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LiverTox: Clinical and Research Information on Drug-Induced Liver Injury [Internet]. Bethesda (MD): National Institute of Diabetes and Digestive and Kidney Diseases; 2012-.

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LiverTox: Clinical and Research Information on Drug-Induced Liver Injury [Internet].

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Colony Stimulating Factors

Last Update: October 30, 2017.



Granulocyte colony stimulating factor (G-CSF) and granulocyte-macrophage colony stimulating factor (GM-CSF) are glycosylated polypeptides that induce an increase in the proliferation and maturation of white blood cells including neutrophils and monocytes-macrophages. Recombinant forms of these colony stimulating factors are used to treat severe neutropenia in patients receiving cancer chemotherapy or undergoing hematopoietic cell transplantation. Recombinant forms include filgrastim (G-CSF) and sargramostim (GM-CSF), both of which are commercially available for therapy of severe neutropenia and bone marrow failure. Neither filgrastim nor sargramostim have been linked to serum enzyme elevations during therapy or to clinically apparent liver injury.


Filgrastim (fil gra' stim) is a recombinant, non-glycosylated form of the 175 amino acid protein, granulocyte colony stimulating factor (G-CSF) that induces the proliferation and maturation of neutrophils. G-CSF is normally produced by multiple cell types including monocytes, fibroblasts, macrophages and stromal cells. It acts on specific receptors found on granulocyte progenitors and causes an increase in circulating neutrophils. Recombinant filgrastim has been shown to increase total neutrophil counts and to protect, in part, against severe infections in patients with neutropenia for various causes.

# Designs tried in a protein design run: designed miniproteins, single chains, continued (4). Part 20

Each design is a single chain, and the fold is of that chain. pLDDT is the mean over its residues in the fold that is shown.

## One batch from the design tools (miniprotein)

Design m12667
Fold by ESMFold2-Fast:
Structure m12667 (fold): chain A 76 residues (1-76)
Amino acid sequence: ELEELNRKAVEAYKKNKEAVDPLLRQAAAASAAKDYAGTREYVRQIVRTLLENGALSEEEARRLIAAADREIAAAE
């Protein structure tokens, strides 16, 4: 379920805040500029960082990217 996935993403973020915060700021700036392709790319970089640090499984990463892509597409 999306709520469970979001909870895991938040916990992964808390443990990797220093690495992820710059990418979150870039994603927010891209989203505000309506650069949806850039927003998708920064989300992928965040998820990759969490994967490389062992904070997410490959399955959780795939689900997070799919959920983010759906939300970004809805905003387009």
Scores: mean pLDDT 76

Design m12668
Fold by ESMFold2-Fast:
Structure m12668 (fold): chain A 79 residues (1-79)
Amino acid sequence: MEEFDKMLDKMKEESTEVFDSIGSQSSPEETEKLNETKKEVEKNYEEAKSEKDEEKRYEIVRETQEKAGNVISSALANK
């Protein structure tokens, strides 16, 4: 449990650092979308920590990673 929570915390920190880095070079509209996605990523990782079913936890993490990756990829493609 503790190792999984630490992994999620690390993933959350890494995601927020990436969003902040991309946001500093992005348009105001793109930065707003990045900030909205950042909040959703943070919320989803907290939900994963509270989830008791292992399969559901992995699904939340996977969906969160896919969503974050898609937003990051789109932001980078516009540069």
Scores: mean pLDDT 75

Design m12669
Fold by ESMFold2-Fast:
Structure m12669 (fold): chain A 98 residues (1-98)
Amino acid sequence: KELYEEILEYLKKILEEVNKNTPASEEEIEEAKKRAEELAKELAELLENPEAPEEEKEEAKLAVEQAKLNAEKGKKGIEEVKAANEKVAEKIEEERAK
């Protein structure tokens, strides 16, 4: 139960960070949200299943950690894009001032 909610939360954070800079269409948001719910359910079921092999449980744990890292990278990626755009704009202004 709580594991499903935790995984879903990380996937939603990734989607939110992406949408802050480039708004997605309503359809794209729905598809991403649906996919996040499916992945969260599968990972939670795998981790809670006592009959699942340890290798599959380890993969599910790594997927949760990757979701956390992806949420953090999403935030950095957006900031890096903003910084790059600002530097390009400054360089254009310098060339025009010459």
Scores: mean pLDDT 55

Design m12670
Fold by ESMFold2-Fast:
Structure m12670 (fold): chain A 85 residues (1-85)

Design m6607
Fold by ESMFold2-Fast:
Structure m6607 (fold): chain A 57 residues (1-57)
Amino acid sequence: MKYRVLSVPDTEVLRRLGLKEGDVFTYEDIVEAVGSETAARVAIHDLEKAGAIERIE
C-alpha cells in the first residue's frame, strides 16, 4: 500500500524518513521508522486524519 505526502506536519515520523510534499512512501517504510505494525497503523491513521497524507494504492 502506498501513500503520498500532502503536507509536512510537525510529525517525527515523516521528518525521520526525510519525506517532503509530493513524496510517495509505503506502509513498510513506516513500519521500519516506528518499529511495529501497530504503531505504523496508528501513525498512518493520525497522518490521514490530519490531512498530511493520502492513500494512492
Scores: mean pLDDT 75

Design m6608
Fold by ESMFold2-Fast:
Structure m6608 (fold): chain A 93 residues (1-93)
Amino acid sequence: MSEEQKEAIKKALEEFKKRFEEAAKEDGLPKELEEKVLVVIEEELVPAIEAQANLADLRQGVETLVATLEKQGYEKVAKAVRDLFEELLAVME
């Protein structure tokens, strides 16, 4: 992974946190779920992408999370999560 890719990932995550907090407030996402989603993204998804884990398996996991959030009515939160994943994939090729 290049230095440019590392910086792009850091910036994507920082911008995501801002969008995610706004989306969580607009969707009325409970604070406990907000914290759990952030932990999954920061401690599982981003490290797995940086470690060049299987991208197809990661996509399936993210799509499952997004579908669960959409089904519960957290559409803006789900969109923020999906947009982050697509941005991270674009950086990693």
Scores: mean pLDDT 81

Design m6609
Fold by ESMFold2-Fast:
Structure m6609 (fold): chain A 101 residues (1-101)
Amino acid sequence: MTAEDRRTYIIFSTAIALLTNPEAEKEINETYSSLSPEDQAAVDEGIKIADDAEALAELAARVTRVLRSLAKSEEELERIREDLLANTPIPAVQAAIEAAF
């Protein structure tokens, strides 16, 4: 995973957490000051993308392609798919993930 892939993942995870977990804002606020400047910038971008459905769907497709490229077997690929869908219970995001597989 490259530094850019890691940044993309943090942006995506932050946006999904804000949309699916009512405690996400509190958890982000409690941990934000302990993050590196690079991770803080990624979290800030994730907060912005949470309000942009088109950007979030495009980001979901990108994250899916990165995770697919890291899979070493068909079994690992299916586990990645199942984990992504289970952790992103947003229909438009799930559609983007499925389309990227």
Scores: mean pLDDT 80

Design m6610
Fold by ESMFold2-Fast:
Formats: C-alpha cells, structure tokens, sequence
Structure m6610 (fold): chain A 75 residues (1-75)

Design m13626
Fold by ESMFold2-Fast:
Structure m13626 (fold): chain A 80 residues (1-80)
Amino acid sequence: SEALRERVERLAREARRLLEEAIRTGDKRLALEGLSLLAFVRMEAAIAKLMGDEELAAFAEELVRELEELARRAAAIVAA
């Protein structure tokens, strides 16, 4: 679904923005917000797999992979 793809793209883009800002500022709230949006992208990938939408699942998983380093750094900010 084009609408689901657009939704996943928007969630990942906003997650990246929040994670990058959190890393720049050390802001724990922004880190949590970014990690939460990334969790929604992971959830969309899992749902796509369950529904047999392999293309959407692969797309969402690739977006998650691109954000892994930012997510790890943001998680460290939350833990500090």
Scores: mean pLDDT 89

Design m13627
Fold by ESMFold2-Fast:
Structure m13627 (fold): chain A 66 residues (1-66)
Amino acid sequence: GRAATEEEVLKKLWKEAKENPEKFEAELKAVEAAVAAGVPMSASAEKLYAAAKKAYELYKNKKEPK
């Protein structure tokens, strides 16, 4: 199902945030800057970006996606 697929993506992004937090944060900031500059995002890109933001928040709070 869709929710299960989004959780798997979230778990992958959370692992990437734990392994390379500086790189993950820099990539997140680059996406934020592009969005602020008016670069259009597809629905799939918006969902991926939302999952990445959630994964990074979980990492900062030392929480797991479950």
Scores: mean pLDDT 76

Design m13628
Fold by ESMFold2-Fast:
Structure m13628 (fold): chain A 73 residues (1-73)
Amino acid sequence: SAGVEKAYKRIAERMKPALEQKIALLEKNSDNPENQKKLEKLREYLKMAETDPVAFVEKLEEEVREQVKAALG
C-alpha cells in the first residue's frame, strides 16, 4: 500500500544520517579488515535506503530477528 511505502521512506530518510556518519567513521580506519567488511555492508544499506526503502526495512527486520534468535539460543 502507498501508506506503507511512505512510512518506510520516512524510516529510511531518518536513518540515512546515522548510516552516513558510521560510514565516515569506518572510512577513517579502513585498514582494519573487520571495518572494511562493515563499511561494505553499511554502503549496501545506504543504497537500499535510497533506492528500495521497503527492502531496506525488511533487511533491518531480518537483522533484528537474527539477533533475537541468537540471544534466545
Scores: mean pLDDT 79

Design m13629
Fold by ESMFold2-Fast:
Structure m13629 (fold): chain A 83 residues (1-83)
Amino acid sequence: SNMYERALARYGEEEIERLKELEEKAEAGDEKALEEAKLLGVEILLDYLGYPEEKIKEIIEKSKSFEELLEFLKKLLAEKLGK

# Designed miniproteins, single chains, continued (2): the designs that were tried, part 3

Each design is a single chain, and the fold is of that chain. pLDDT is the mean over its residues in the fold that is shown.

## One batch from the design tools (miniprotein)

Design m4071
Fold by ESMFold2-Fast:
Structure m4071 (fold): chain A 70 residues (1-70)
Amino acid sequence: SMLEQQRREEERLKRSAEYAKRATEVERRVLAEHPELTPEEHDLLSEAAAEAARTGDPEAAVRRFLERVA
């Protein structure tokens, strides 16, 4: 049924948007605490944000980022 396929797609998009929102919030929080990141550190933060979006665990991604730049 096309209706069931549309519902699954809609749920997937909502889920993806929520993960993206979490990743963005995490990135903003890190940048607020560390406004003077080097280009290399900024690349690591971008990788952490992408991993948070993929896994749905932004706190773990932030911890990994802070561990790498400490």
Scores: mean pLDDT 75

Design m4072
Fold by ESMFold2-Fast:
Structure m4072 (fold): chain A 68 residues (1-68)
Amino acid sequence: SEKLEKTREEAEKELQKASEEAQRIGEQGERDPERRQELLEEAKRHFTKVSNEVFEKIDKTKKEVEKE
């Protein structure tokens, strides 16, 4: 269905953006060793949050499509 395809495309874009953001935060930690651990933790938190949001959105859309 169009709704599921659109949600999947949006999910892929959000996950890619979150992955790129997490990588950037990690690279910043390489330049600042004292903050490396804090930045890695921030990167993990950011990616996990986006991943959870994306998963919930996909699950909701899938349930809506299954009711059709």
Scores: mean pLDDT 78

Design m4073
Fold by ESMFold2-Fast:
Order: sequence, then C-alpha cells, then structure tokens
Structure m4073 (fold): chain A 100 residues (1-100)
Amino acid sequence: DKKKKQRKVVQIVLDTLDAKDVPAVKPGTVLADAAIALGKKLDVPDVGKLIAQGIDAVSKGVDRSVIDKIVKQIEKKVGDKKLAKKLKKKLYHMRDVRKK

Filgrastim was approved for use in the United States in 1991, and current indications are for chemotherapy induced neutropenia, in hematopoietic cell transplantation after myeloablation and in congenital and cyclic neutropenias. Filgrastim is also used in patients undergoing autologous peripheral blood progenitor (stem) cell collection. Filgrastim is available as a solution in single use vials or prefilled syringes (300 and 600 mcg each) for subcutaneous or intravenous administration under the brand name Neupogen. Dose regimens vary by indication (5 or 10 mcg/kg per day) and route of administration (intravenous or subcutaneous).

A pegylated, long acting form of G-CSF (pegfilgrastim) became available in 2002 under the brand name Neulasta which can be given once weekly and has similar efficacy and safety as filgrastim. The current formal indications for pegfilgrastim are limited to prevention of febrile neutropenia during myelosuppressive cancer chemotherapy for non-myeloid malignancies. Pegfilgrastim is available in solution of 6 mg/0.6 mL in prefilled syringes. The typical dose is 6 mg subcutaneously once per chemotherapy cycle. Common side effects of filgrastim and pegfilgrastim include fever, musculoskeletal pain, rash, cough and shortness of breath. Rare side effects include acute allergic reactions, splenic rupture and acute respiratory distress syndrome.

Sargramostim (sar gra' moe stim) is a recombinant form of granulocyte-macrophage stimulating factor (GM-CSF) that stimulates the proliferation and maturation of neutrophils and macrophages. Sargramostim is prepared in yeast (S. cerevisae) and is a 127 amino acid glycoprotein that is 98% identical to native, human GM-CSF. Sargramostim increases the number and activity of circulating neutrophils and monocytes. Sargramostim was approved in the United States in 1991 for use in patients with acute myelogenous leukemia after chemotherapy induced neutropenia. Current indications also include support of patients undergoing hematopoietic cell transplantation as well as for patients undergoing autologous peripheral blood progenitor (stem) cell collection. Sargramostim is available in liquid and lyophilized forms under the brand names Leukine and Prokine. Sargramostim is given either intravenously or subcutaneously daily or three times weekly, the dose and regimen varying by indication. Common side effects include fever, headache, fatigue, bone pain, nausea and weakness, but similar rates of these symptoms are reported with placebo or comparator therapies.